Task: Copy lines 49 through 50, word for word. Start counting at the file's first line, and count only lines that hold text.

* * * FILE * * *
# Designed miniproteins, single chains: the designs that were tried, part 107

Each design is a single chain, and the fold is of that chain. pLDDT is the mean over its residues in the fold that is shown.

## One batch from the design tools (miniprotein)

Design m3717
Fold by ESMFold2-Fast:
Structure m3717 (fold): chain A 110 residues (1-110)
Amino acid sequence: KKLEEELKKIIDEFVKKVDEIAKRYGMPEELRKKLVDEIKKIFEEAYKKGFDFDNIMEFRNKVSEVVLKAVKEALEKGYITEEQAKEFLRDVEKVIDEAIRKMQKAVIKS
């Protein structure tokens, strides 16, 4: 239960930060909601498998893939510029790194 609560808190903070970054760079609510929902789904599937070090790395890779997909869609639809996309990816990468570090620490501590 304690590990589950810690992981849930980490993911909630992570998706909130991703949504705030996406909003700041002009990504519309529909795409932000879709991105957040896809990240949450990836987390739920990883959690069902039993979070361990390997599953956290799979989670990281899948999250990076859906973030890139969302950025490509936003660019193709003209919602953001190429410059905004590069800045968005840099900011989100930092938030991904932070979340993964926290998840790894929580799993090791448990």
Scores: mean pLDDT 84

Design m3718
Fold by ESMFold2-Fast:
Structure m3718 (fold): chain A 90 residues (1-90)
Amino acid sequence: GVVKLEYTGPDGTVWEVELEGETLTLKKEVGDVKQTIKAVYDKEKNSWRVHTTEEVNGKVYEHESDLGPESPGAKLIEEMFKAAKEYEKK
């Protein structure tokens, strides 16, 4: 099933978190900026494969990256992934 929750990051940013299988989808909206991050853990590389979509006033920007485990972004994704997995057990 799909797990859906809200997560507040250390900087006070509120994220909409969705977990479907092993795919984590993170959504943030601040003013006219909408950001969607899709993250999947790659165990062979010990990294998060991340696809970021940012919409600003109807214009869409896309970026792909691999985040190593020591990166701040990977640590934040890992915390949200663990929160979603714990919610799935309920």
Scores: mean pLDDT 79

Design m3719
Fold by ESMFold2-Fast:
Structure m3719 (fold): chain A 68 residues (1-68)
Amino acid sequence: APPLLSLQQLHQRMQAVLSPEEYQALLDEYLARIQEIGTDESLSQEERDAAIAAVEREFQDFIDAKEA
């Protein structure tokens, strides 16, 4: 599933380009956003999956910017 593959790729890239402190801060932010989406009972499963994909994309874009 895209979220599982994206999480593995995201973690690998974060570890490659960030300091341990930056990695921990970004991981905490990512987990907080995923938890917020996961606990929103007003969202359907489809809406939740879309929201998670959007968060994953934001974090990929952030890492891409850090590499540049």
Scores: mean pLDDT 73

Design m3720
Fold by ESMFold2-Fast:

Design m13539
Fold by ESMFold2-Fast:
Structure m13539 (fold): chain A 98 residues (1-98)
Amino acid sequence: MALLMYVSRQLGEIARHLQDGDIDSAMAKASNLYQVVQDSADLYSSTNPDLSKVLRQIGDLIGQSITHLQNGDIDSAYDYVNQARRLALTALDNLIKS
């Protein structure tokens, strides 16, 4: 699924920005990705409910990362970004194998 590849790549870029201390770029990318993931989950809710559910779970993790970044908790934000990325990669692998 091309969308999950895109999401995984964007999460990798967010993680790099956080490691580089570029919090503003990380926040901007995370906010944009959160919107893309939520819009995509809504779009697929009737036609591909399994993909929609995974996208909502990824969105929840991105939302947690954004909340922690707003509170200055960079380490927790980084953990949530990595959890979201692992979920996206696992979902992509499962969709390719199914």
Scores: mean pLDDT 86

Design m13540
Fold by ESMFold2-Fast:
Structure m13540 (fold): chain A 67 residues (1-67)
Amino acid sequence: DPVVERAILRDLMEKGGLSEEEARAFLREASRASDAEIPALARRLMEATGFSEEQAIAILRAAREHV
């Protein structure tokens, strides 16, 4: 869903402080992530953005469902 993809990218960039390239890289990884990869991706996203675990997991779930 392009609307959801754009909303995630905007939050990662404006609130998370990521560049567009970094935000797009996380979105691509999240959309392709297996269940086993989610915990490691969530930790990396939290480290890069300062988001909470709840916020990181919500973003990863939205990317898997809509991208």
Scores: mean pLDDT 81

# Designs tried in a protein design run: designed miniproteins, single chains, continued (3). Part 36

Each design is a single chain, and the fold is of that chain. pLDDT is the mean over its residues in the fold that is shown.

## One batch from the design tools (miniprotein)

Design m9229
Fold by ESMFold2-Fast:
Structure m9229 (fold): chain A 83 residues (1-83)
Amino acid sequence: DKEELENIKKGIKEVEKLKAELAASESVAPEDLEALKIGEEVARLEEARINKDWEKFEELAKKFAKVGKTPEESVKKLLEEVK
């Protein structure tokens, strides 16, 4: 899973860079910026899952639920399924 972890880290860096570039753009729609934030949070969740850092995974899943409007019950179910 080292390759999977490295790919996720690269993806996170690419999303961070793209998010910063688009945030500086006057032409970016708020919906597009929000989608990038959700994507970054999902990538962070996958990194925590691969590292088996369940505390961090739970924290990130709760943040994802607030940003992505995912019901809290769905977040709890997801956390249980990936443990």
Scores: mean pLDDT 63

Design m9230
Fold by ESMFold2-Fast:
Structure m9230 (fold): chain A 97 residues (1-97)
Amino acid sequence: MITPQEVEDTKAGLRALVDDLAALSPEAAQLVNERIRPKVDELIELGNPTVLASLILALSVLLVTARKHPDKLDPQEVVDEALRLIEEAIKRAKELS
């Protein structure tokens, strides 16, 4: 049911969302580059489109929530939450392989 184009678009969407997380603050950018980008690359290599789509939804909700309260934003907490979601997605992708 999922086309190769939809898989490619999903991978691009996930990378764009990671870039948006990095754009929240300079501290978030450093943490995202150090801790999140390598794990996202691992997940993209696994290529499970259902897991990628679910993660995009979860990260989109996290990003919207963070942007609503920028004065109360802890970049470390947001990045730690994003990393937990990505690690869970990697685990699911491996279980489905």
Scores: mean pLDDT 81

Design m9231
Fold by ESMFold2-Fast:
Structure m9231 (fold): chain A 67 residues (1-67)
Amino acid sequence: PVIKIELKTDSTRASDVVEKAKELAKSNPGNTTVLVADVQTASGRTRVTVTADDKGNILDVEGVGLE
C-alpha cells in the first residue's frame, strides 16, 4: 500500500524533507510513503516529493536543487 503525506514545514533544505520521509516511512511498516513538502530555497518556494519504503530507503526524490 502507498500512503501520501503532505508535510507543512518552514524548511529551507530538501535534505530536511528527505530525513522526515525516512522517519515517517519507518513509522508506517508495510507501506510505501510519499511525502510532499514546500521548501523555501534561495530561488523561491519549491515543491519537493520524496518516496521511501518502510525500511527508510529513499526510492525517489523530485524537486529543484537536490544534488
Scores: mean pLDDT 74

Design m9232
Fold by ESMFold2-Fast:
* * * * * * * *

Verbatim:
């Protein structure tokens, strides 16, 4: 049911969302580059489109929530939450392989 184009678009969407997380603050950018980008690359290599789509939804909700309260934003907490979601997605992708 999922086309190769939809898989490619999903991978691009996930990378764009990671870039948006990095754009929240300079501290978030450093943490995202150090801790999140390598794990996202691992997940993209696994290529499970259902897991990628679910993660995009979860990260989109996290990003919207963070942007609503920028004065109360802890970049470390947001990045730690994003990393937990990505690690869970990697685990699911491996279980489905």
Scores: mean pLDDT 81